Does Your R985 Blow Oil Out The Breather?
A Case Study: The Aero Recip 24-7 AOG Service
Aircraft: DHC-2 Beaver with Pratt & Whitney R-985 engine
Excessive oil leak from the engine’s magneto drives, and has abnormal pressure in the oil tank
On a busy June weekend, the operator’s PRM is unable to determine why the magneto drives are leaking. All engine instruments and performance are normal. Customer and pilot safety being the priority, the aircraft is grounded until the reason for of the leak and pressurized oil tank is confirmed and repaired.
After attempting unsuccessfully to contact another engine shop, the PRM contacts Aero Recip on its 24-7 AOG line. Aero Recip answers immediately and connects the PRM with Aero Recip Technical Advisor, Wayne Cathers.
After careful analysis of the situation, Wayne directs the operator’s PRM to check for a cork in the rear case. “We pulled the fuel pump and drive off and reached in behind to find the port – that allows the oil out – blocked by the generator drive cork seal. A cork is located. It had become lodged in the rear case drain port, impeding oil flow, causing the rear case to fill with oil.”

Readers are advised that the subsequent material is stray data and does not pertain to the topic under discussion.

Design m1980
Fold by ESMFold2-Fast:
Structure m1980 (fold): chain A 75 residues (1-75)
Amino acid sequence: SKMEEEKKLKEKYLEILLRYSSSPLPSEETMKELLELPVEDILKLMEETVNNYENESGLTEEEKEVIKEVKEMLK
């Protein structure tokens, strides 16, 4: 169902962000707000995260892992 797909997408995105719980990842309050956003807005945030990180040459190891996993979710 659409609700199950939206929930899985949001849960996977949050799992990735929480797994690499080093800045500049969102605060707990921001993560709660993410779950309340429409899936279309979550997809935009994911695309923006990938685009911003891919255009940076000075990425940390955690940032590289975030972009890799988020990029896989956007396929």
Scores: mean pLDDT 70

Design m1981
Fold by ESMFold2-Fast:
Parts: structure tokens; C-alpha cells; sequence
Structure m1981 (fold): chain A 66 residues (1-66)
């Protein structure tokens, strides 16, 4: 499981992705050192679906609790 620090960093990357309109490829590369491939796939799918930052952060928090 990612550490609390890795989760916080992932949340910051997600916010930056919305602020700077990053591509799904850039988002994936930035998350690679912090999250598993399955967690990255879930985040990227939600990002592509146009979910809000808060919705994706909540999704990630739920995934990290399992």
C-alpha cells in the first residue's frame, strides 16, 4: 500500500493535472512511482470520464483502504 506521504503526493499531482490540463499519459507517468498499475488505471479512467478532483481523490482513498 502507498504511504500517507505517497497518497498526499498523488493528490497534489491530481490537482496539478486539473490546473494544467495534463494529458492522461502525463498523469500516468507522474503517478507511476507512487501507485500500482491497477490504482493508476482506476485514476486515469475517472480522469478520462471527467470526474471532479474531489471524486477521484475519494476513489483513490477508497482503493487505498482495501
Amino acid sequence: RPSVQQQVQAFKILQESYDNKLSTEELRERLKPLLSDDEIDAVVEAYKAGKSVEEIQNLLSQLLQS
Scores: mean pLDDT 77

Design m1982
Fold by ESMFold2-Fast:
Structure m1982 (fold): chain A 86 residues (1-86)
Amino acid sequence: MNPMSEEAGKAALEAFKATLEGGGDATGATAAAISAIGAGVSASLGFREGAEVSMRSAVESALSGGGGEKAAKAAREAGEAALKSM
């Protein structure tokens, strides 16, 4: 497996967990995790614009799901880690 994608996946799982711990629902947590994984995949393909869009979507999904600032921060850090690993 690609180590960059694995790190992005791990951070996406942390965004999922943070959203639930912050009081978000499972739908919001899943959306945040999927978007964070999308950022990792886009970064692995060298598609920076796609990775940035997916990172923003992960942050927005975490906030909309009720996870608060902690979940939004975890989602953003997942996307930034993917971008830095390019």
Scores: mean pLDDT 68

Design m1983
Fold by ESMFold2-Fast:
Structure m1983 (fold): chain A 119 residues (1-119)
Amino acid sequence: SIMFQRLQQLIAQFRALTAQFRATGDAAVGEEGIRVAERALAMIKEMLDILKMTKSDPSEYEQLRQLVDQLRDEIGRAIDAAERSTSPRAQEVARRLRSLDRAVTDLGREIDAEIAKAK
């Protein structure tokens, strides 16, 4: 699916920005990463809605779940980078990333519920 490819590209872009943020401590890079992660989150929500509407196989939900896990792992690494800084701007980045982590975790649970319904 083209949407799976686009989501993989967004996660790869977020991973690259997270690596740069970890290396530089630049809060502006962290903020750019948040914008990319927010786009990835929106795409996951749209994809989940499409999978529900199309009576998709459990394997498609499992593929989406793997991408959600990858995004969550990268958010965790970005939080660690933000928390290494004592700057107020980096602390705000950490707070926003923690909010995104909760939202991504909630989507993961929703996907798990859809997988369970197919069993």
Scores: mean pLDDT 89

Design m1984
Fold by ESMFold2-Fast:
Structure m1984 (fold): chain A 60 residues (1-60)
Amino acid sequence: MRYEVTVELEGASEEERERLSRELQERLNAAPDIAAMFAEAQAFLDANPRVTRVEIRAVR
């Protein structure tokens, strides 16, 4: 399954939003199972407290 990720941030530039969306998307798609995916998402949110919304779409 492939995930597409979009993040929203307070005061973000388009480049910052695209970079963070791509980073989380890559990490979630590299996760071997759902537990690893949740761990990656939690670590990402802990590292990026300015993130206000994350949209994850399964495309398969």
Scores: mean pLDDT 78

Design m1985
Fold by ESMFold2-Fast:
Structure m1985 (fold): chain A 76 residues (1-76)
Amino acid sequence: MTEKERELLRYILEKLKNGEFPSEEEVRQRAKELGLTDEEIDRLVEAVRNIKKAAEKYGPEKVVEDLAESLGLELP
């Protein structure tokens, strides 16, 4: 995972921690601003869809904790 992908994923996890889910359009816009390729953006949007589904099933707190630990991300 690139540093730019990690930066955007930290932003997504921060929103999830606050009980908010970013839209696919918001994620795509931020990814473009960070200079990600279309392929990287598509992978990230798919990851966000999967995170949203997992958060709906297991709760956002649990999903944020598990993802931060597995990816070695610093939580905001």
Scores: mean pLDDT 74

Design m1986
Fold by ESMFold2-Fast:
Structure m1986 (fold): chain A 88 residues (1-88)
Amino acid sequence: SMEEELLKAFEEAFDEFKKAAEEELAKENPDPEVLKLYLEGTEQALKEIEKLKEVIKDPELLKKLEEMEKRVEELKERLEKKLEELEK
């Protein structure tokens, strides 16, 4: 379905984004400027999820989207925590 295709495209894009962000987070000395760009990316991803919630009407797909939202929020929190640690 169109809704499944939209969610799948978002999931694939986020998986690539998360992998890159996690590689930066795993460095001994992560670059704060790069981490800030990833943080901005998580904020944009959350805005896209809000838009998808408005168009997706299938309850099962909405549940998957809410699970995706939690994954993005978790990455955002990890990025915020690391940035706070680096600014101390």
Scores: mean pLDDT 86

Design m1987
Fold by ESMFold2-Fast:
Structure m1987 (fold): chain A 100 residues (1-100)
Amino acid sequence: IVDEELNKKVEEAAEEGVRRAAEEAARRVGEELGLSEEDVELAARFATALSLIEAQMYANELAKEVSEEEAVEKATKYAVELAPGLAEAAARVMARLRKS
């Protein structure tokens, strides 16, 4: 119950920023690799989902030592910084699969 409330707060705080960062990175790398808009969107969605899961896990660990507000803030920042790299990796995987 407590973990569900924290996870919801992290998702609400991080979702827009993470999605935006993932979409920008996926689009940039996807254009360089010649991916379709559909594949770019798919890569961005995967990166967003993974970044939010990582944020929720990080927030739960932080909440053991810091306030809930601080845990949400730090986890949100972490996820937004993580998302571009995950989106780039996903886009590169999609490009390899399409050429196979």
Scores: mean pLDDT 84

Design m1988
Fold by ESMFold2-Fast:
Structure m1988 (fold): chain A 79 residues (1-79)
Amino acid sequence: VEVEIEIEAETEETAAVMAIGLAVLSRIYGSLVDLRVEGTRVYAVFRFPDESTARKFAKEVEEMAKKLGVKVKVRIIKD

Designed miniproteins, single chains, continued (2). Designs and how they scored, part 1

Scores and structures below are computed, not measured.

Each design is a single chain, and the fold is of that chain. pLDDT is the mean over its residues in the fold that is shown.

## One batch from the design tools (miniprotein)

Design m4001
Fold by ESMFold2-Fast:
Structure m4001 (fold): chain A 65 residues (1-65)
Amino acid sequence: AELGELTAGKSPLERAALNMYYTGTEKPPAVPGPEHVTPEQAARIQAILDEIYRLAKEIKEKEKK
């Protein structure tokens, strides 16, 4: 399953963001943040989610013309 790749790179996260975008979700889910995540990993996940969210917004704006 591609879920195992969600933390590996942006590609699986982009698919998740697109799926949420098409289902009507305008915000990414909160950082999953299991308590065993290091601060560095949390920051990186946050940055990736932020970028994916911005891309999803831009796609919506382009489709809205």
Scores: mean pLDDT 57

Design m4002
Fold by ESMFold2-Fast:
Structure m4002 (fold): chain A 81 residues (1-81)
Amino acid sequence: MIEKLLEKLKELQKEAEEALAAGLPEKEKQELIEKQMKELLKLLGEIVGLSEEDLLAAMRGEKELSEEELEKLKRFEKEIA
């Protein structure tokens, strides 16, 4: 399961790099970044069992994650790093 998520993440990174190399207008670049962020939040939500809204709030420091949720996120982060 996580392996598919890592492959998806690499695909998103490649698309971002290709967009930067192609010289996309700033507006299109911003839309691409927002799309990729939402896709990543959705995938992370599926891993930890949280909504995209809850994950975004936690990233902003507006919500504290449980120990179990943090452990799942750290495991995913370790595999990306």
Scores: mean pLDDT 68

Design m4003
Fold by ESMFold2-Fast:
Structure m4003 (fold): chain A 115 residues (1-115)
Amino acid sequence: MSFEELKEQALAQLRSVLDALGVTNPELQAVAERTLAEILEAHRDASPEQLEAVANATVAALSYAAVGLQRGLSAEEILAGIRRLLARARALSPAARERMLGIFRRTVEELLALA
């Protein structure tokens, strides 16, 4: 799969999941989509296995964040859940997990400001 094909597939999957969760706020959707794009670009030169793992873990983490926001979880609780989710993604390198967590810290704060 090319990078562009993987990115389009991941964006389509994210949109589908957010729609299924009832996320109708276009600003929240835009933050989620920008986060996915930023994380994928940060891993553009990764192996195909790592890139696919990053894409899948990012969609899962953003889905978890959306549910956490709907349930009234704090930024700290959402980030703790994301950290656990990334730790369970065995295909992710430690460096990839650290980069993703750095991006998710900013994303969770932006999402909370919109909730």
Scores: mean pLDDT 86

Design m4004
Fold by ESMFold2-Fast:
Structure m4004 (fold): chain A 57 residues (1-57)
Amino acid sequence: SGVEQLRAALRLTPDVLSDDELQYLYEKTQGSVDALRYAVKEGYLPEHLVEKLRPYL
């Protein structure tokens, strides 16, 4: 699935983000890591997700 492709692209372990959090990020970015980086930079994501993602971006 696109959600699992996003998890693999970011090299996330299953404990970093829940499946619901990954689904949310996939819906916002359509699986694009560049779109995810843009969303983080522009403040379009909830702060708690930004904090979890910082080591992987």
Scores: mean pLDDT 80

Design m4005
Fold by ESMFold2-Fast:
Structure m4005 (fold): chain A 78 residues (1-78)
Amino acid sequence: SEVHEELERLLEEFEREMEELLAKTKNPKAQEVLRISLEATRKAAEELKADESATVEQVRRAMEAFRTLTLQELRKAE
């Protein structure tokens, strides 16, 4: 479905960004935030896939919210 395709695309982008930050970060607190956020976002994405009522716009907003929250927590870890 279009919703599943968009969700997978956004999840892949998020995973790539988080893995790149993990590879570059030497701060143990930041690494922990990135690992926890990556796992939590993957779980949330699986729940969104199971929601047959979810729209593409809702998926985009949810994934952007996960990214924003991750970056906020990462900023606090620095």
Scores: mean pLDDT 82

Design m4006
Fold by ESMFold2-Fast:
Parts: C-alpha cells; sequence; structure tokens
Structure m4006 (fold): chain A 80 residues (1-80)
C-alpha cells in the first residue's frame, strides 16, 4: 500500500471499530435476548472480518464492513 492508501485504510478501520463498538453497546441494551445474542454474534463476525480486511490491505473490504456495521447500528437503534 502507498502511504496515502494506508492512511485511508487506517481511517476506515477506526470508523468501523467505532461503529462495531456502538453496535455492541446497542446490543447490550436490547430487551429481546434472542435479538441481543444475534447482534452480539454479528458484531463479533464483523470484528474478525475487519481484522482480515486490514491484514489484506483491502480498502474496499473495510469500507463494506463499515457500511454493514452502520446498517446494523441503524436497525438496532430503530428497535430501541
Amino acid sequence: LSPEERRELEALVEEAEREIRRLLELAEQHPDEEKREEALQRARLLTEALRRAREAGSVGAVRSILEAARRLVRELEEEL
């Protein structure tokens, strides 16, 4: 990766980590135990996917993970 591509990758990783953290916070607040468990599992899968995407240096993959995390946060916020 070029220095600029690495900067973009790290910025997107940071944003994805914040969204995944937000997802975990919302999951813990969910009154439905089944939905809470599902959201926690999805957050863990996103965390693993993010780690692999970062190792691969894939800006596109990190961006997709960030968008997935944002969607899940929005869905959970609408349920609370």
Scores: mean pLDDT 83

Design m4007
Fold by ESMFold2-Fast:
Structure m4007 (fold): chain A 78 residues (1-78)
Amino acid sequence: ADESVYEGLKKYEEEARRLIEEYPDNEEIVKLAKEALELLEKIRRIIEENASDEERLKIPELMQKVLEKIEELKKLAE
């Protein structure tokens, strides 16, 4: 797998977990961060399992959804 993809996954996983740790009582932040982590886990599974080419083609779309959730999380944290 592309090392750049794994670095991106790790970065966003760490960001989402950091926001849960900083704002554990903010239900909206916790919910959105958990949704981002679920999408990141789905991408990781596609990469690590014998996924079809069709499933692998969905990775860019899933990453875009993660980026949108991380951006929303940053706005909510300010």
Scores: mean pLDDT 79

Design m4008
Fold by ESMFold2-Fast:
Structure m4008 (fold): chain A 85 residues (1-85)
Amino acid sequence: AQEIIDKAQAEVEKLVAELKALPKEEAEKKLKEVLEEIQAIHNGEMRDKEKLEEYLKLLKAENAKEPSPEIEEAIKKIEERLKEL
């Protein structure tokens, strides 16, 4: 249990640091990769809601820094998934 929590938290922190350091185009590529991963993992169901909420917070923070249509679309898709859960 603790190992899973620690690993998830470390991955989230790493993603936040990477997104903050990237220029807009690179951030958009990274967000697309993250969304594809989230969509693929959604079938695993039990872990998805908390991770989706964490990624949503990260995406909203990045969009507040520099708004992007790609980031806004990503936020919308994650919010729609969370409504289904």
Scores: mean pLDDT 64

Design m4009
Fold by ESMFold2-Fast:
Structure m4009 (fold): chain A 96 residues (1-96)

The OEM installed generator is commonly replaced with an alternator. In these cases, the alternator drive spline can push the cork seal out of the bottom of the accessory drive gear, which causes the cork to fall into the rear case, potentially migrating to the outlet drain port. “We converted the generator to an alternator drive on the R-985 a year earlier,” the PRM explains, “which pushed out the cork. After about 300 hours the cork became lodged in the drain hole and oil built up in the rear case.”
On confirming the cause of the leak, according to the PRM, “Wayne’s instructions really helped. After removing the cork, we reinstalled the fuel pump and drive, tested the engine and returned the aircraft to service. “We’re definitely happy with AeroRecip’s knowledge and support. It meant we could sleep at night knowing everything was running smoothly again.”